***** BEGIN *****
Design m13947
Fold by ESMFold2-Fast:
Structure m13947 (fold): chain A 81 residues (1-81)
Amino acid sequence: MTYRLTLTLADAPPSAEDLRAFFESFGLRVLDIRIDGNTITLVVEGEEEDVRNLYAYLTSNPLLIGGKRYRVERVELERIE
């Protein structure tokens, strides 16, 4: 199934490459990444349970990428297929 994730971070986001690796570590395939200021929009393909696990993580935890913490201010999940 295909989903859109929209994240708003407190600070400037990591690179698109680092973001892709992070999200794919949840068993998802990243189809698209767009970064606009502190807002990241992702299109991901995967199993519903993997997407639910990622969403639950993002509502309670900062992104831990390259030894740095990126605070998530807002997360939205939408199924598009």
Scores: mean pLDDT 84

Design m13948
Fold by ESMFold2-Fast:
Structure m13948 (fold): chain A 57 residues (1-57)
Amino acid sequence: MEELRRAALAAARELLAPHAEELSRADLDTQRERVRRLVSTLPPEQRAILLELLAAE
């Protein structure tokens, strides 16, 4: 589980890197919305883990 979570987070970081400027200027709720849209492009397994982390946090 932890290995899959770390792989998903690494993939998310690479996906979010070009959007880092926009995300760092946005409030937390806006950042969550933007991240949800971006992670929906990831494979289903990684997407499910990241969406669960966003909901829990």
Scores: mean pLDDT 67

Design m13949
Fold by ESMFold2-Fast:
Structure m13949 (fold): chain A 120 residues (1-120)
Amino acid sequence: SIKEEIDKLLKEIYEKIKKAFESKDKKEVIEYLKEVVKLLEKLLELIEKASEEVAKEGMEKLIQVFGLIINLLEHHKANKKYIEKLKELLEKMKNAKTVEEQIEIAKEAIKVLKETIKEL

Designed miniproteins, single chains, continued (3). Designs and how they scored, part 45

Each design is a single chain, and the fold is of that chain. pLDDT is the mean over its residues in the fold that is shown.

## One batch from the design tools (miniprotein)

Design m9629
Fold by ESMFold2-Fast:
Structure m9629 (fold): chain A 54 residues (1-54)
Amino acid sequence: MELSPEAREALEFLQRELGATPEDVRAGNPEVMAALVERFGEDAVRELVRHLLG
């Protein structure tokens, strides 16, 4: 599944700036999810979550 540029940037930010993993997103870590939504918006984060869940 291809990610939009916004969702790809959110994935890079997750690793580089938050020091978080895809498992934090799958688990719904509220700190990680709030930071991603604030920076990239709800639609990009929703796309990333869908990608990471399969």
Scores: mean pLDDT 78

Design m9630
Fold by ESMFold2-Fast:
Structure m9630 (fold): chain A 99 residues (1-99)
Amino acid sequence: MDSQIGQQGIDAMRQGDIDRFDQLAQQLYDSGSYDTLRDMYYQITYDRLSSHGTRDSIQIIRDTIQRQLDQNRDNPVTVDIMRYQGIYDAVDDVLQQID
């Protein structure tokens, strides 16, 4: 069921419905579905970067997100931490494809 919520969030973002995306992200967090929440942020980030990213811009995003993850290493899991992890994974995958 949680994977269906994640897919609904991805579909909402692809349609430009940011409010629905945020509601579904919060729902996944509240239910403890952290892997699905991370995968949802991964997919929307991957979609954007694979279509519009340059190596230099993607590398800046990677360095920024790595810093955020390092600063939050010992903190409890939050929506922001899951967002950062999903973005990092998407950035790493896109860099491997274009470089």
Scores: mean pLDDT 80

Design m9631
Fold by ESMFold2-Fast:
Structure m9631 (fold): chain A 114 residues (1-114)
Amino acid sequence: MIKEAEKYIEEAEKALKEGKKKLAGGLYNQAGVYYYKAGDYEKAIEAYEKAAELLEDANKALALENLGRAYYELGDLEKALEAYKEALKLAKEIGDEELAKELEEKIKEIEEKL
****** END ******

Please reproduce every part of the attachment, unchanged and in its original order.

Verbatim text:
Design m13947
Fold by ESMFold2-Fast:
Structure m13947 (fold): chain A 81 residues (1-81)
Amino acid sequence: MTYRLTLTLADAPPSAEDLRAFFESFGLRVLDIRIDGNTITLVVEGEEEDVRNLYAYLTSNPLLIGGKRYRVERVELERIE
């Protein structure tokens, strides 16, 4: 199934490459990444349970990428297929 994730971070986001690796570590395939200021929009393909696990993580935890913490201010999940 295909989903859109929209994240708003407190600070400037990591690179698109680092973001892709992070999200794919949840068993998802990243189809698209767009970064606009502190807002990241992702299109991901995967199993519903993997997407639910990622969403639950993002509502309670900062992104831990390259030894740095990126605070998530807002997360939205939408199924598009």
Scores: mean pLDDT 84

Design m13948
Fold by ESMFold2-Fast:
Structure m13948 (fold): chain A 57 residues (1-57)
Amino acid sequence: MEELRRAALAAARELLAPHAEELSRADLDTQRERVRRLVSTLPPEQRAILLELLAAE
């Protein structure tokens, strides 16, 4: 589980890197919305883990 979570987070970081400027200027709720849209492009397994982390946090 932890290995899959770390792989998903690494993939998310690479996906979010070009959007880092926009995300760092946005409030937390806006950042969550933007991240949800971006992670929906990831494979289903990684997407499910990241969406669960966003909901829990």
Scores: mean pLDDT 67

Design m13949
Fold by ESMFold2-Fast:
Structure m13949 (fold): chain A 120 residues (1-120)
Amino acid sequence: SIKEEIDKLLKEIYEKIKKAFESKDKKEVIEYLKEVVKLLEKLLELIEKASEEVAKEGMEKLIQVFGLIINLLEHHKANKKYIEKLKELLEKMKNAKTVEEQIEIAKEAIKVLKETIKEL

Designed miniproteins, single chains, continued (3). Designs and how they scored, part 45

Each design is a single chain, and the fold is of that chain. pLDDT is the mean over its residues in the fold that is shown.

## One batch from the design tools (miniprotein)

Design m9629
Fold by ESMFold2-Fast:
Structure m9629 (fold): chain A 54 residues (1-54)
Amino acid sequence: MELSPEAREALEFLQRELGATPEDVRAGNPEVMAALVERFGEDAVRELVRHLLG
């Protein structure tokens, strides 16, 4: 599944700036999810979550 540029940037930010993993997103870590939504918006984060869940 291809990610939009916004969702790809959110994935890079997750690793580089938050020091978080895809498992934090799958688990719904509220700190990680709030930071991603604030920076990239709800639609990009929703796309990333869908990608990471399969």
Scores: mean pLDDT 78

Design m9630
Fold by ESMFold2-Fast:
Structure m9630 (fold): chain A 99 residues (1-99)
Amino acid sequence: MDSQIGQQGIDAMRQGDIDRFDQLAQQLYDSGSYDTLRDMYYQITYDRLSSHGTRDSIQIIRDTIQRQLDQNRDNPVTVDIMRYQGIYDAVDDVLQQID
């Protein structure tokens, strides 16, 4: 069921419905579905970067997100931490494809 919520969030973002995306992200967090929440942020980030990213811009995003993850290493899991992890994974995958 949680994977269906994640897919609904991805579909909402692809349609430009940011409010629905945020509601579904919060729902996944509240239910403890952290892997699905991370995968949802991964997919929307991957979609954007694979279509519009340059190596230099993607590398800046990677360095920024790595810093955020390092600063939050010992903190409890939050929506922001899951967002950062999903973005990092998407950035790493896109860099491997274009470089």
Scores: mean pLDDT 80

Design m9631
Fold by ESMFold2-Fast:
Structure m9631 (fold): chain A 114 residues (1-114)
Amino acid sequence: MIKEAEKYIEEAEKALKEGKKKLAGGLYNQAGVYYYKAGDYEKAIEAYEKAAELLEDANKALALENLGRAYYELGDLEKALEAYKEALKLAKEIGDEELAKELEEKIKEIEEKL